This natural avalanche happened right behind the hut on the day we arrived. While throughout the week we weren't getting any signs of stability issues, we knew the layer was there, and if we ever wanted to forget, this guy would always remind us of what was lingering below, waiting to make us a statistic if we chose to ignore the signs.

Over the course of my skiing life I have transitioned my focus in skiing in a very stereotypical way - little shredder to moguls to park rat to big shredder to pow skier to where I am now, a backcountry skier looking for big mountain lines. I didn't choose that path because it was what I was supposed to do, it just kinda happened by coincidence that my skiing evolved in the way you would expect it to - until this winter. I realize now that I find the most fun and enjoyment in skiing by playing in the safety of the trees hitting smaller, less demanding terrain. Some could look at it as a step backwards, but as I said earlier, the best part of this sport is the absolute freedom you have while clicked into your skis. For years I considered anyone who was still jibbing in their mid 20's and older as 'doing it wrong'. Why would you still be hitting rails when you could (and should) have moved on to shredding pow in the mountains. Turns out, I was looking at the whole thing with the wrong mentality. There is no right or wrong way to ski as long as you are maximizing your enjoyment while participating in the sport. Next time someone tries to give you shit for hitting an urban rail, or lapping the park on a pow day, don't even bother getting defensive because in the end, you're the one who's having the most fun that day and that's all that matters. The key to a long successful life in skiing is to keep motivated and skiing how you want to ski, not by doing what 'they' say is the proper way.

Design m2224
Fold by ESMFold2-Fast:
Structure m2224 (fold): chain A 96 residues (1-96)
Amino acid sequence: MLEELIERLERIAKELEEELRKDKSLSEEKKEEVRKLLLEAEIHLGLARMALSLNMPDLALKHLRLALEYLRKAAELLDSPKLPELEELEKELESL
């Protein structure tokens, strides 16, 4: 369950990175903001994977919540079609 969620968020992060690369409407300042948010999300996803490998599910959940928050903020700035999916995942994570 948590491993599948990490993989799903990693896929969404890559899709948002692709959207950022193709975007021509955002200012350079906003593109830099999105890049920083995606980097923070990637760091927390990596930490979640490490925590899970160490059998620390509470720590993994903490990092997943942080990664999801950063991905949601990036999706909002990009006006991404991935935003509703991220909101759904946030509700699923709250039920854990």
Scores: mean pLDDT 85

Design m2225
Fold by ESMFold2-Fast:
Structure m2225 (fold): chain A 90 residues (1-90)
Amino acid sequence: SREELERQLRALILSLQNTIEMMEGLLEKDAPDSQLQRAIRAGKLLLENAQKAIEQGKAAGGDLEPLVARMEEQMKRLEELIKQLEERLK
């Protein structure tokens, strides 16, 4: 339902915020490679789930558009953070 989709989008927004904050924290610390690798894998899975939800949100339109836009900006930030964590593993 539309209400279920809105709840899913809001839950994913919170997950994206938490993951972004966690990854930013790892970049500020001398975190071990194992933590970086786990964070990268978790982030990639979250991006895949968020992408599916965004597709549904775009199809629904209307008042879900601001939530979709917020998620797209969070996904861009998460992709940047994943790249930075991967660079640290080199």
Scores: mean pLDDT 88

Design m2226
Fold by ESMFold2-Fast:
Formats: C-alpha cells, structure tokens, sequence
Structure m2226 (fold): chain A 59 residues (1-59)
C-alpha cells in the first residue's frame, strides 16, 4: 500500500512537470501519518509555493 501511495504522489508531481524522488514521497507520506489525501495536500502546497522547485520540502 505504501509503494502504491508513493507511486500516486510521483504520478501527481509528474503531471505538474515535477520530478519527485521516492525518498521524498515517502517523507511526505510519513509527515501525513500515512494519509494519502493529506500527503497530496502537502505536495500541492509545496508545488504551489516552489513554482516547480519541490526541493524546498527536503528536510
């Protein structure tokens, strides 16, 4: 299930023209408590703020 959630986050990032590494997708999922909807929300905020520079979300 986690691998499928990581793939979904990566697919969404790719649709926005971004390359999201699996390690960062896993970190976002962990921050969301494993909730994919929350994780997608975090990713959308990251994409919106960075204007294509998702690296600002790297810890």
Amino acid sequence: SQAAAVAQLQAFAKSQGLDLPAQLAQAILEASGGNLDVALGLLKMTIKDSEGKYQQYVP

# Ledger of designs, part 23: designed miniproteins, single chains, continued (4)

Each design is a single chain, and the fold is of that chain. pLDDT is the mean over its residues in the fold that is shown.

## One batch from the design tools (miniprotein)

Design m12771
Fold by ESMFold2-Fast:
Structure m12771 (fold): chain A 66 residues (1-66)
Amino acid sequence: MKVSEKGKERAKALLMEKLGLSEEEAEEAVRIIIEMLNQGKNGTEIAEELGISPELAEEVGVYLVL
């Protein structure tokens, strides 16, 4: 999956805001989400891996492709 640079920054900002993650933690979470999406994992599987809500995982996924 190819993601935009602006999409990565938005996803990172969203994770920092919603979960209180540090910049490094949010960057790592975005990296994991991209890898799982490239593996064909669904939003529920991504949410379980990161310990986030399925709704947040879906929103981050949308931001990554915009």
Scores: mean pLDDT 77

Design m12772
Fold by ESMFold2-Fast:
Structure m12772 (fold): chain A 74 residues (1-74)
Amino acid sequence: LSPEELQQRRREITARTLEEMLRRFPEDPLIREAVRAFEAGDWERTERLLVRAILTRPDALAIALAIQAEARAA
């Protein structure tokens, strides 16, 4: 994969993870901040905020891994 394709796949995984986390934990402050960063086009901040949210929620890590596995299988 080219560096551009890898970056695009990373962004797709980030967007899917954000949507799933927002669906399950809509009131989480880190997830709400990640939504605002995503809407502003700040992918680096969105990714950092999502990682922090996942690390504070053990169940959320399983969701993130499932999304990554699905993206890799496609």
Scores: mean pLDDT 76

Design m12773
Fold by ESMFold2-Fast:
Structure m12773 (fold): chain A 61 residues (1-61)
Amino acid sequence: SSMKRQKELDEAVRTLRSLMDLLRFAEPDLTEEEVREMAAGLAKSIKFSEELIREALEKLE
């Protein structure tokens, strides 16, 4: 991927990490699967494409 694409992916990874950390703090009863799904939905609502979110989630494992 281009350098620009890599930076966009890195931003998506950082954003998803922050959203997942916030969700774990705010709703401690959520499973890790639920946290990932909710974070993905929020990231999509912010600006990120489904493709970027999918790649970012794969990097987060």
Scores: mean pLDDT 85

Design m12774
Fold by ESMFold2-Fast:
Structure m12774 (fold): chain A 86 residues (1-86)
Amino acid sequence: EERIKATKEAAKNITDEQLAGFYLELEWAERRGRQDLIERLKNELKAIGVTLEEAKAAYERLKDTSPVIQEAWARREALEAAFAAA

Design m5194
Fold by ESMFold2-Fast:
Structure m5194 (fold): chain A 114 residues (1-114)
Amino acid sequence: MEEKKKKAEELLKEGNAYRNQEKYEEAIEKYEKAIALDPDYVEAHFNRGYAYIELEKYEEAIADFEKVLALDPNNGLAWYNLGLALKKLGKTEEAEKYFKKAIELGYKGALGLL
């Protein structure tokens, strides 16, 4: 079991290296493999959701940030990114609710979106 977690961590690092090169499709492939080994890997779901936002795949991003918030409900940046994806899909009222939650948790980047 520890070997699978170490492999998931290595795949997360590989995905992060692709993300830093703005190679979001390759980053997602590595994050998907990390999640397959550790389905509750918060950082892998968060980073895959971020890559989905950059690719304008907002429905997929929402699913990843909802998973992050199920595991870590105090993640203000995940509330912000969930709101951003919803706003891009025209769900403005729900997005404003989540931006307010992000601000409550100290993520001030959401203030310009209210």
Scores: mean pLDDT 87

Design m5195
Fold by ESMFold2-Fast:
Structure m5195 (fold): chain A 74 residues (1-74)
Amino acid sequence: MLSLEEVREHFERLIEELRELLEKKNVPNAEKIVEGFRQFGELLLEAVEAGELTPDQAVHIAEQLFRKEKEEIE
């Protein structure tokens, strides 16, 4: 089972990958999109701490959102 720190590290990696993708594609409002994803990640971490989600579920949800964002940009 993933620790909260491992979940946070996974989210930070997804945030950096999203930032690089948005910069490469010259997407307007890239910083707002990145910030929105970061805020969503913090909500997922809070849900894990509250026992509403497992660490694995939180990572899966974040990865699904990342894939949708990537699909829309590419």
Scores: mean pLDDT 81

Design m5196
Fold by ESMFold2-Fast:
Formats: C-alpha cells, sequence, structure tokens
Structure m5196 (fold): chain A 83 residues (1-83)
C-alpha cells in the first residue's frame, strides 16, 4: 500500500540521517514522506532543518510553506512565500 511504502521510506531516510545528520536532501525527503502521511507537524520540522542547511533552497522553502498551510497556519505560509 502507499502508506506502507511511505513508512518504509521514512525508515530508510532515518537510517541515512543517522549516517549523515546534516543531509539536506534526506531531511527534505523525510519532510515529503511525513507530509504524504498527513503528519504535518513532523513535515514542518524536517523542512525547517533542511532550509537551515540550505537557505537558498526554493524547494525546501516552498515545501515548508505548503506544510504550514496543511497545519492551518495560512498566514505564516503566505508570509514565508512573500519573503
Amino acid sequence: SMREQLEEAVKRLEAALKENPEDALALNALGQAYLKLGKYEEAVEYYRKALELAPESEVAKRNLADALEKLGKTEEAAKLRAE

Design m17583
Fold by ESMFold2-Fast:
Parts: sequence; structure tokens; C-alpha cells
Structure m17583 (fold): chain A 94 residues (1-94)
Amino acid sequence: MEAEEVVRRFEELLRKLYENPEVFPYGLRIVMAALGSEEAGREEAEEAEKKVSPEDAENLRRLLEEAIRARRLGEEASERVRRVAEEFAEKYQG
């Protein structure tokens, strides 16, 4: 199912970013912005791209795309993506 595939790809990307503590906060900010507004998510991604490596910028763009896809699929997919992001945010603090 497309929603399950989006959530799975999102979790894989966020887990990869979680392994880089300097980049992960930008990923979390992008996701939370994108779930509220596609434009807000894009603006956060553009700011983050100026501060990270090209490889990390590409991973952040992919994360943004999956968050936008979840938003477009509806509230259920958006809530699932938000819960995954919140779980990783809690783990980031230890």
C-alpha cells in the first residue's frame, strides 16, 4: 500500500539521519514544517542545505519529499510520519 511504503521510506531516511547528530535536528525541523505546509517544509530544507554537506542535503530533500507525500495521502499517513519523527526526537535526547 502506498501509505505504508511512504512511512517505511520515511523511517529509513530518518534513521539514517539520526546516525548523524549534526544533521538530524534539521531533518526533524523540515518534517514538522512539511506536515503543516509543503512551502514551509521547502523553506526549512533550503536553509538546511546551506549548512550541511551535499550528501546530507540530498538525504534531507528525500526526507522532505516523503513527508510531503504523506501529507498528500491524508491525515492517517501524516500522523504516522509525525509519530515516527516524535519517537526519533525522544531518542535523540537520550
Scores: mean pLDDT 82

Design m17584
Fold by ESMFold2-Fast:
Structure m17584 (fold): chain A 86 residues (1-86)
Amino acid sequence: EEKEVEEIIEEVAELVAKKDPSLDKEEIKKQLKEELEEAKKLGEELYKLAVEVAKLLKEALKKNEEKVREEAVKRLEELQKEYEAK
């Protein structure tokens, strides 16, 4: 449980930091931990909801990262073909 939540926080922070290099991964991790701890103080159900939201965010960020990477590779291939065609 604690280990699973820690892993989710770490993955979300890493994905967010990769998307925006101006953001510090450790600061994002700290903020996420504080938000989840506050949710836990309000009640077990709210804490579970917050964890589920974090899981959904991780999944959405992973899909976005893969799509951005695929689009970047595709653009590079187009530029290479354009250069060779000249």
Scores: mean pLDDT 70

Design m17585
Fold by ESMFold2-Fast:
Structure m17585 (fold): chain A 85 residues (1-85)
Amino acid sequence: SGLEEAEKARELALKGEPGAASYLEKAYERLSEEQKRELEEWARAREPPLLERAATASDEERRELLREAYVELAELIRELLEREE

Photo by: Ian Stibbe

This is my happy place. Stacks of pillows in the safety of the trees. Not sure if I'll ever get bored of skiing this kind of terrain.

I believe Warren Miller said it best at the end of Level 1's Refresh.

"Skiing's become very popular for a very simple reason. Man's basic instinct is his search for freedom. A lot of peoples first taste of freedom, is they traverse across a hill and make a turn. And if they can't get to the side of a hill, they can find it on a flight of stairs, they can find it on a rail. There's something about putting those slippery sticks on your feet that gives you freedom... ...When I go down the hill with people and I get to the bottom of the hill, everybody who got down there with a smile on their face were the same. And quite often when I'm skiing with people, all I tell them is 'Look it. When you're my age, I just hope you have as much fun as I just had on that run."